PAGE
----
It is undeniable that technology has fundamentally altered our relationship to our environment and to each other, and I believe the ultimate effect has been one of alienation. No longer do we make our own food (we might still prepare it, but we do not grow it ourselves, and most of us have no idea where our food even comes from), or our own clothes, or our own furniture—in fact, most of us no longer produce anything of our own.
Heidegger argues that the result has been a deterioration in our relationship with things (in the most general sense of the term, including natural and man-made objects): Because we merely see things as resources to be 'set upon' to maximize use, we no longer see objects as having intrinsic meaning, but just as entities to be manipulated to our needs and desires of the moment. And because we no longer have to accomodate ourselves to things, but force them to accomodate themselves to us, we drain the meaning from our lives. As Heidegger scholar Mark Wrathall interprets:
Dealing with objects and people that have fixed properties requires us to develop bodily and social skills, for example. Technological devices, by contrast, replace the need for bodily skills with a mechanism that does everything for us. . . If one wanted to enjoy music at home in a pre-technological age, one had to develop the skills to perform music. In the technological age, one needs only to be able to click a mouse or push a button to consume music. . . therefore, we ourselves lose the skills and capacities that give us our own identity and, as importantly, we lose a kind of receptivity to the things around us.In my last post on Heidegger, I touched on a different problem, the way we seem to sometimes treat ourselves merely as machines to be manipulated. Indeed, dietary supplements that claim to "maximize performance" sometimes seem like they are trying to sell themselves for automobiles rather than human beings; likewise, I can't help but be creeped out by the way antidepressants purport to alter your "brain chemistry." There's no doubt about it: man is mechanizing and automating himself, both literally and metaphorically.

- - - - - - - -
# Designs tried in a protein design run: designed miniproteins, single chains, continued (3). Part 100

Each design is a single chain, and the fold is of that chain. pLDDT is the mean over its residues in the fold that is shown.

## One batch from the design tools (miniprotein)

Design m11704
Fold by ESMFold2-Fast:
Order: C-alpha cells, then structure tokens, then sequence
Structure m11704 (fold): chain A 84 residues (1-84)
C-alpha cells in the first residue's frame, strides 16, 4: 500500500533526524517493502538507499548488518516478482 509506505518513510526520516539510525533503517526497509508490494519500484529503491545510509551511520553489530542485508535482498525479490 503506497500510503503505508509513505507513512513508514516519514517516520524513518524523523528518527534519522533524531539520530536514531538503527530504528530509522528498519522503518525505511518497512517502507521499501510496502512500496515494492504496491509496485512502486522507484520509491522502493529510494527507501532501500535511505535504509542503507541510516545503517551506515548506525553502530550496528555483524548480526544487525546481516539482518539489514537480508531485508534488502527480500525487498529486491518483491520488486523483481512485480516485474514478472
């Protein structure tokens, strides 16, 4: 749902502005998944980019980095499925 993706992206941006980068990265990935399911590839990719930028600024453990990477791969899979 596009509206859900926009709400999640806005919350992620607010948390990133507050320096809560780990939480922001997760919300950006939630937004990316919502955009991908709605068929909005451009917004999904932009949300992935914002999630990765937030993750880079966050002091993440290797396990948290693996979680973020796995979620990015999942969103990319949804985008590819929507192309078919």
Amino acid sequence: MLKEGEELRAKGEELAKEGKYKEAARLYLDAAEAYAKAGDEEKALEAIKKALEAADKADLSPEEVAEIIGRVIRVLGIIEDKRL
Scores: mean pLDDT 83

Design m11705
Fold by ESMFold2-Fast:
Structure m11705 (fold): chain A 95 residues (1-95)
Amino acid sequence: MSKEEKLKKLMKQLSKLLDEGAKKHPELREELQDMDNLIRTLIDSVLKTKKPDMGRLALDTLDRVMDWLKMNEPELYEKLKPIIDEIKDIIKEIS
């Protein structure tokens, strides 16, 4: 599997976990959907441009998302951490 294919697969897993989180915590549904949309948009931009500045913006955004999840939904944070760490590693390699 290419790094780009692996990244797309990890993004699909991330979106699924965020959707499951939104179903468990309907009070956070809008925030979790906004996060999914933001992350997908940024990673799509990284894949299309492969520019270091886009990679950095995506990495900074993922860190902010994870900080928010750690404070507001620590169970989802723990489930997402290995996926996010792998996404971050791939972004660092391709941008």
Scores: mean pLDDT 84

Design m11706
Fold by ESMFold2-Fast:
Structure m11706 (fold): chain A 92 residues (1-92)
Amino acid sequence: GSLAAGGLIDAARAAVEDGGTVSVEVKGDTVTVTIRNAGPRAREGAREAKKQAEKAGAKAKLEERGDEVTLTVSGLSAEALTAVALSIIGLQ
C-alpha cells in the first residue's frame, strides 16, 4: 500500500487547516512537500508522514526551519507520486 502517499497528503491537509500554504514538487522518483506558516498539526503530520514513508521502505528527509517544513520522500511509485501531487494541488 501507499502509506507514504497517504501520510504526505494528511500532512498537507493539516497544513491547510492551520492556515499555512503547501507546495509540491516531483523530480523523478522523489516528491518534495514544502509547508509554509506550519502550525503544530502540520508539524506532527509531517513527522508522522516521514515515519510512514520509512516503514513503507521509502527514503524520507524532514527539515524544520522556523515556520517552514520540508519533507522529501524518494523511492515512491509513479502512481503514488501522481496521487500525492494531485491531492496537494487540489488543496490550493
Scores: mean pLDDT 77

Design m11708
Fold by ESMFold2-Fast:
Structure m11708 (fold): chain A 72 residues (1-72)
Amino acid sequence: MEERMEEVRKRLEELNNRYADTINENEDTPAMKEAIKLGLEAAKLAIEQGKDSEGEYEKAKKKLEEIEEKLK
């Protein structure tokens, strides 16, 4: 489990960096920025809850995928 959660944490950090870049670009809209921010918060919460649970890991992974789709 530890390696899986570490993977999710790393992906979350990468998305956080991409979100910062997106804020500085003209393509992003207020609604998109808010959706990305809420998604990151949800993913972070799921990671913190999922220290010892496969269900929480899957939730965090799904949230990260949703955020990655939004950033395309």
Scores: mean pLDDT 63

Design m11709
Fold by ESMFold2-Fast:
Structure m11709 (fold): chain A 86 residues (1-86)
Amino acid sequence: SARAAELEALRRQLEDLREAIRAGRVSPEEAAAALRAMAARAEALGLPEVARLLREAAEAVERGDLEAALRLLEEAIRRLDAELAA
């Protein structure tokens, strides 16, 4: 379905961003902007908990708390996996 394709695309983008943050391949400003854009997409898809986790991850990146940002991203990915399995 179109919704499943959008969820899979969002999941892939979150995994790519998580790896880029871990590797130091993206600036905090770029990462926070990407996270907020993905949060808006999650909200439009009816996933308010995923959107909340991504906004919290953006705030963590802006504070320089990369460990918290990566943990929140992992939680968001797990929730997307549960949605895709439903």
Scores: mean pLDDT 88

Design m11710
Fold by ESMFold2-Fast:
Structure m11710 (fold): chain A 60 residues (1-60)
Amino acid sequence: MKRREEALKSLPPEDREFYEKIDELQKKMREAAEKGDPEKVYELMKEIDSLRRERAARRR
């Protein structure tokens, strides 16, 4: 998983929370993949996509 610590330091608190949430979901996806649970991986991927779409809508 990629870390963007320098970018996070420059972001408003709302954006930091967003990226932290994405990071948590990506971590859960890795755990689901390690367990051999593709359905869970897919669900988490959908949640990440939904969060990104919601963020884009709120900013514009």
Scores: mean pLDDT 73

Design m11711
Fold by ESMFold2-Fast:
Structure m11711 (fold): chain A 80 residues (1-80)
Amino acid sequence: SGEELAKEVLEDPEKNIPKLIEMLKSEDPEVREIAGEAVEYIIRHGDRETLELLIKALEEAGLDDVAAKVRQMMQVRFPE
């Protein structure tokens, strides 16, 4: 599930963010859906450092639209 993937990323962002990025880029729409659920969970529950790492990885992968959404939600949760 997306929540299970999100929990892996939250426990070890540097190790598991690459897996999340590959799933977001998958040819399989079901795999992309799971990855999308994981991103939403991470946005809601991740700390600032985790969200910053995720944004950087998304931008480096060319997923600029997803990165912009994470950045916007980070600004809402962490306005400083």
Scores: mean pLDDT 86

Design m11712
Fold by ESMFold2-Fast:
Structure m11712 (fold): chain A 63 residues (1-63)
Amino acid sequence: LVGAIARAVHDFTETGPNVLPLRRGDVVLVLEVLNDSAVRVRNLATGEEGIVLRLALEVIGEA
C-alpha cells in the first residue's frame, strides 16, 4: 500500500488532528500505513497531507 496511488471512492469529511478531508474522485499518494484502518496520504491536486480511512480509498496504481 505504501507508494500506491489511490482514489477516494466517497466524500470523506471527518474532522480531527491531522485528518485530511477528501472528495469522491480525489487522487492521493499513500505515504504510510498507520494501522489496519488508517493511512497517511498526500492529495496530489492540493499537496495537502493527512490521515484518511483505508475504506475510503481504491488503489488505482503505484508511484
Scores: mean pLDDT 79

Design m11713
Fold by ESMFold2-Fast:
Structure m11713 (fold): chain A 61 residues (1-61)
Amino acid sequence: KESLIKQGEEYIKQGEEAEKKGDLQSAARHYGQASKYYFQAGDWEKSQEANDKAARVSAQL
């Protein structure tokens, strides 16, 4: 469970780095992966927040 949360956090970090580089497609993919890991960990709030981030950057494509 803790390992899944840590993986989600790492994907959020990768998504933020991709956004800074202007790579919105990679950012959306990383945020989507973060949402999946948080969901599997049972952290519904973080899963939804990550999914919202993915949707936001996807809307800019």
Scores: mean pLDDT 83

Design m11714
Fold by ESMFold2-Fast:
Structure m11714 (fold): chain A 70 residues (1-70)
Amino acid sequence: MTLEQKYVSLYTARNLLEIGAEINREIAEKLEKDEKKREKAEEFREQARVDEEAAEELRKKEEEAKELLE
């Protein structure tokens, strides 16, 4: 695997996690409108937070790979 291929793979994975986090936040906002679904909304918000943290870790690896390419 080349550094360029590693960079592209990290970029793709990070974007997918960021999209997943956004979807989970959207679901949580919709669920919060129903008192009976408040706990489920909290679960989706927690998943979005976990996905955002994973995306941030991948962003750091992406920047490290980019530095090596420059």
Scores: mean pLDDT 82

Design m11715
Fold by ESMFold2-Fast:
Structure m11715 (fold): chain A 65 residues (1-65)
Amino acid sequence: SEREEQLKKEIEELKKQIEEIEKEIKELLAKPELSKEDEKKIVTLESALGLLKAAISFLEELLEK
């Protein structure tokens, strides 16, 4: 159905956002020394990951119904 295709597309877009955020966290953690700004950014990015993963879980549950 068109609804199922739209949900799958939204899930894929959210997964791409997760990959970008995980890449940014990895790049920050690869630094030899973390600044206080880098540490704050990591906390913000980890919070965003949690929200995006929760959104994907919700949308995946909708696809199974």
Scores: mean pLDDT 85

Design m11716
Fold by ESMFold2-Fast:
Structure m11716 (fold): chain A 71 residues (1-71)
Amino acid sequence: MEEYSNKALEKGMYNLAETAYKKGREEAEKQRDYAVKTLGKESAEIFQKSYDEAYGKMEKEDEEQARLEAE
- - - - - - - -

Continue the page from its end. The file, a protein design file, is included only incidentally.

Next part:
I know this is all very vague and not specific, so I'll try to clarify with an example of what I mean. Being in college, many of my friends are still trying to figure out "what they want to do with their lives," and some seem to have a pretty good idea. Of those who do have a good idea, I would further divide them into two groups: Those that follow their passions, and those that, more or less, seem to adopt the goals that their parents, or maybe even their peers, expect them to. Let's say, for instance, that one decides to become a doctor because that's what one's parents expect. I'm not trying to pass judgment here at all, but simply trying to note something that seems to occur in the latter case.
The person that is passionate about his chosen goals and projects naturally "throws himself" into his endeavors, while the reluctant pre-med student compels herself to study each night. That is, she feels that she works against her will, even though she is at the same time the one willing herself to work—this is the meaning of self-alienation: the feeling of coercing oneself.
What I take to distinguish self-alienation from mere self-discipline (i.e., forcing yourself to do homework even when you'd rather just relax and have a beer) is lack of self-knowledge. In the technological attitude, one does not question the "nature" of the things one harvests for resources—indeed, such a question does not even make sense, because things just are resources. Similarly, self-alienation occurs when one forces oneself to take up a certain project or goal without questioning the nature of oneself—what deters or attracts one to the goal in question, and why one may or may not be suited to pursue that goal.
I'm not sure how much of this is intelligible, but it's a good example of what happens when I let myself ramble for a while...So I'm eager to hear any thoughts you guys have!